For 739 reviews, this critic has graded:
  • 61% higher than the average critic
  • 3% same as the average critic
  • 36% lower than the average critic
On average, this critic grades 7.8 points higher than other critics. (0-100 point scale)

David Ansen's Scores

  • Movies
  • TV
Average review score: 70
Highest review score: 100 The Lord of the Rings: The Two Towers
Lowest review score: 0 Book of Shadows: Blair Witch 2
Score distribution:
  1. Negative: 43 out of 739
739 movie reviews
    • 85 Metascore
    • 50 David Ansen
    De Palma has brought back Travolta's edge and intelligence. Relieved of having to give a star turn, Travolta seems happy to buckle down and do a straight-ahead, no-frills acting job. [27 July 1981, p.74]
    • Newsweek
    • 82 Metascore
    • 60 David Ansen
    There's something decidedly mechanical about this intermittently gripping movie's bleak view of human nature.
    • 77 Metascore
    • 60 David Ansen
    The film seems to want us to pin a medal to its own chest.
    • 76 Metascore
    • 60 David Ansen
    Escape From New York gets more conventional as it goes along, settling for chases and narrow escapes when it could have had wild social satire as well. Carpenter has a deeply ingrained B-movie sensibility--which is both his strength and limitation. He does clean work, but settles for too little. [27 July 1981, p. 75]
    • Newsweek
    • 76 Metascore
    • 60 David Ansen
    In the antic, melancholy comedy The Royal Tenenbaums, the singular Wes Anderson (“Rushmore”) abandons his native Texas for a storybook vision of New York.
    • Newsweek
    • 76 Metascore
    • 60 David Ansen
    Damon's Ripley is considerably different from the charming sociopath in Patricia Highsmith's novel or the smooth lothario played by Alain Delon in the 1960 French thriller "Purple Noon."
    • 75 Metascore
    • 50 David Ansen
    Harron sets the stage expertly, but her lack of a point of view ultimately enervates the movie. [6 May 1996, p. 78]
    • Newsweek
    • 74 Metascore
    • 60 David Ansen
    Townsend explodes the industry's tunnel vision in a series of skits, the best of which are explosively funny. His vision of the Black Acting School, run by white instructors ("You, too, can learn to walk black"), captures the movie's message in a raucous nutshell. He also gives us a memorable black street version of a Siskel-Ebert-type critic show called "Sneakin' in the Movies." This supercheapo flick ($ 100,000) is a hit-or-miss affair, but it comes as a tonic: no one's made this movie before. [6 Apr 1987, p.64]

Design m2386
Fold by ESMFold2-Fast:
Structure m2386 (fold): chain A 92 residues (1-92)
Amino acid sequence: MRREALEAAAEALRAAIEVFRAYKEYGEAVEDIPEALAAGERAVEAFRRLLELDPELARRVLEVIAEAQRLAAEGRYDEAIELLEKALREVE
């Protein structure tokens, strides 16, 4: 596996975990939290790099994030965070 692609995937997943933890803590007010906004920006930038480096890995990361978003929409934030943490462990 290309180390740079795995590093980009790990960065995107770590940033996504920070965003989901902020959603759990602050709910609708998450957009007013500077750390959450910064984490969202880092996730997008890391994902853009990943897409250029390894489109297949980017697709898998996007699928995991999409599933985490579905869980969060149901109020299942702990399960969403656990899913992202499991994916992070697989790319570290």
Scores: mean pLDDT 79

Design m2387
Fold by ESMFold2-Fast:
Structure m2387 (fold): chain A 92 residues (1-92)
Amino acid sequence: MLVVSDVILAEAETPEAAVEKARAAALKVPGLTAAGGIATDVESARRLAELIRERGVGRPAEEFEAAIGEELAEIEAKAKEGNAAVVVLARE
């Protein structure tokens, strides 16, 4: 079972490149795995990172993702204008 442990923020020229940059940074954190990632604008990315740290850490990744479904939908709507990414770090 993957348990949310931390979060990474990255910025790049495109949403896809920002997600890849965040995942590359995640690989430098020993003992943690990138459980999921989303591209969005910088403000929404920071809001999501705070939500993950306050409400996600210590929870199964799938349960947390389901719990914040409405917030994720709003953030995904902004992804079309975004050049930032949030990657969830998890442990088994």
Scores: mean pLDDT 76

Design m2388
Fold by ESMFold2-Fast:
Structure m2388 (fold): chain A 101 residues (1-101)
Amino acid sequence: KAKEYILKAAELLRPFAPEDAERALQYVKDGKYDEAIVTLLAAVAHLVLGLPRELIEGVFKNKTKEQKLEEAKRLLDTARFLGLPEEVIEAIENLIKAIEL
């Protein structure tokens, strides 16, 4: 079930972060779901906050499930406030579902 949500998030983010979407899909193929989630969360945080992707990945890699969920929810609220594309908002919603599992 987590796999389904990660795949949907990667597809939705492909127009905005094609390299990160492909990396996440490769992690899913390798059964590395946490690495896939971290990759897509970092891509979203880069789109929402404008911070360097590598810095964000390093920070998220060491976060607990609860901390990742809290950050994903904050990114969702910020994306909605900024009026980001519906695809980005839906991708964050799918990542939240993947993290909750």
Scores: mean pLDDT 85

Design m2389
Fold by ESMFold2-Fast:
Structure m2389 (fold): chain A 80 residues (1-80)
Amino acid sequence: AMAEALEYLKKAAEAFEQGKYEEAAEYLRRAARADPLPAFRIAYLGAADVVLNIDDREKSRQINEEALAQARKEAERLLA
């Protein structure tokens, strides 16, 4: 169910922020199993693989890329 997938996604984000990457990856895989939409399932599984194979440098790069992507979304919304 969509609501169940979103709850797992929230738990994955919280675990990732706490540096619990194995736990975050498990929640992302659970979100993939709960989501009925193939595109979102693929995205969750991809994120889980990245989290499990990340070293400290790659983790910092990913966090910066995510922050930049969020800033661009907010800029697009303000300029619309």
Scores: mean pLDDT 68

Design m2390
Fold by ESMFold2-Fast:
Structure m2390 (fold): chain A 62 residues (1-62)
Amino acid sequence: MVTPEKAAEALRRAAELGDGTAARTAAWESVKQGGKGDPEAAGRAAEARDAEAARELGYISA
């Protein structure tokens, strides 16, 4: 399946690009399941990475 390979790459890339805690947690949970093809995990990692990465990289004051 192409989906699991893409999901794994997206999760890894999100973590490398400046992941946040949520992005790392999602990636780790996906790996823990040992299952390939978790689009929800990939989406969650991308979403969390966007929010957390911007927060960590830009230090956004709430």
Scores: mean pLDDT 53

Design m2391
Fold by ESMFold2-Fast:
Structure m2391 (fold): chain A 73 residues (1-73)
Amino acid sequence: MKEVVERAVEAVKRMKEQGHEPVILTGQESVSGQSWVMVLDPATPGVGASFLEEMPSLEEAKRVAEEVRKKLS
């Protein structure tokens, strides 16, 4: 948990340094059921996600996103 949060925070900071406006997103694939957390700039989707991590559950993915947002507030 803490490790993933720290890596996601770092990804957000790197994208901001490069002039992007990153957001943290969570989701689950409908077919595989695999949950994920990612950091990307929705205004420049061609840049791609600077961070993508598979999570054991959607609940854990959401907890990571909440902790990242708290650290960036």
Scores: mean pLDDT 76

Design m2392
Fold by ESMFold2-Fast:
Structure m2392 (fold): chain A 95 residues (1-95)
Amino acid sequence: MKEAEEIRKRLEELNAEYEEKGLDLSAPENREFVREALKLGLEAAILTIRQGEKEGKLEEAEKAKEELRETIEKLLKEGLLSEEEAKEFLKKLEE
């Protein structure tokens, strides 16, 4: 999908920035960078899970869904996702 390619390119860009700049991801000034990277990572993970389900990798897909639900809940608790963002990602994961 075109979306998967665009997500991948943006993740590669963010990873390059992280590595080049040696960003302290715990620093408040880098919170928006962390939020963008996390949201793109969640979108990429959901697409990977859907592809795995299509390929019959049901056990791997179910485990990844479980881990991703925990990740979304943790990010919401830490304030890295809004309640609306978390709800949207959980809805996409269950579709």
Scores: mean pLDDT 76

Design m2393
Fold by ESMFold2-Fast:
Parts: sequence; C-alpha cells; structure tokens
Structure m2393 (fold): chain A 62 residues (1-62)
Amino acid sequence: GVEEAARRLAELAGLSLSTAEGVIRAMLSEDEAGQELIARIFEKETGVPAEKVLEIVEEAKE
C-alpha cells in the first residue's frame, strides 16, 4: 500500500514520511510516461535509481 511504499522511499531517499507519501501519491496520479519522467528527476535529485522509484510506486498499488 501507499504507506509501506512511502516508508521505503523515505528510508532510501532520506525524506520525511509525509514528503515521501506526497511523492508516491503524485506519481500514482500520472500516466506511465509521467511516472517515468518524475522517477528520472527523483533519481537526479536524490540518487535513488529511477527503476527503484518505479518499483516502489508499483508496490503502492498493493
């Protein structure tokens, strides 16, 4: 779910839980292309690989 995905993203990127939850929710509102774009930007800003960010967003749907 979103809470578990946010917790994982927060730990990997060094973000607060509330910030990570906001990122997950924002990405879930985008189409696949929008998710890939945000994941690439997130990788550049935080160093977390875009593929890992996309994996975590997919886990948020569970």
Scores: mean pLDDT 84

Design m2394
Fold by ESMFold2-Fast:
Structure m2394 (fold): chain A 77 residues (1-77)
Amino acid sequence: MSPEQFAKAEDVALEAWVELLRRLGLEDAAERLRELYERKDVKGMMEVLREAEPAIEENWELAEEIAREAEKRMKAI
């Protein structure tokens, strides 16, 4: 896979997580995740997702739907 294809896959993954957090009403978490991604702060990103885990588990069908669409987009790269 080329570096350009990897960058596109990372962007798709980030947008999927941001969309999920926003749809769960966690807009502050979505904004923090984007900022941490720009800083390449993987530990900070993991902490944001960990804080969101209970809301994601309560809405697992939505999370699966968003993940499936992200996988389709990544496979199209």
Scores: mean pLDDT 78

• Newsweek
    • 73 Metascore
    • 60 David Ansen
    It’s sad to see such stunning work self-destruct. You walk out haunted by the movie that might have been.
    • Newsweek
    • 73 Metascore
    • 50 David Ansen
    Penn's eye for landscapes is stunning, and his affection for outsider lifestyles is tangible. Hirsch, who carries the film on his increasingly emaciated shoulders, performs heroically, but there's an edge missing. The ideal casting would have been the young Sean Penn.
    • 73 Metascore
    • 60 David Ansen
    As anthropology, it's fascinating, and everything about the production is first class. But the human drama at the heart of this movie is stillborn.
    • 73 Metascore
    • 60 David Ansen
    Ray
    It's hobbled by the too-familiar conventions of the musical biopic: with so many chapters of Charles's life to cover, Hackford's movie never finds a rhythm, a groove, to settle into. It wins its battles without winning the war.
    • Newsweek
    • 72 Metascore
    • 50 David Ansen
    Go
    John August's trickily structured script owes an all too obvious debt to "Pulp Fiction," but Liman's film is more like kiddie Tarantino.
    • 72 Metascore
    • 50 David Ansen
    Self-conscious to the point of suffocation.
    • Newsweek
    • 72 Metascore
    • 60 David Ansen
    Gangs is a dream project Scorsese has wanted to make for 30 years. You have to honor its mad ambition. But sadly, it feels like a dream too long deferred.
    • 72 Metascore
    • 40 David Ansen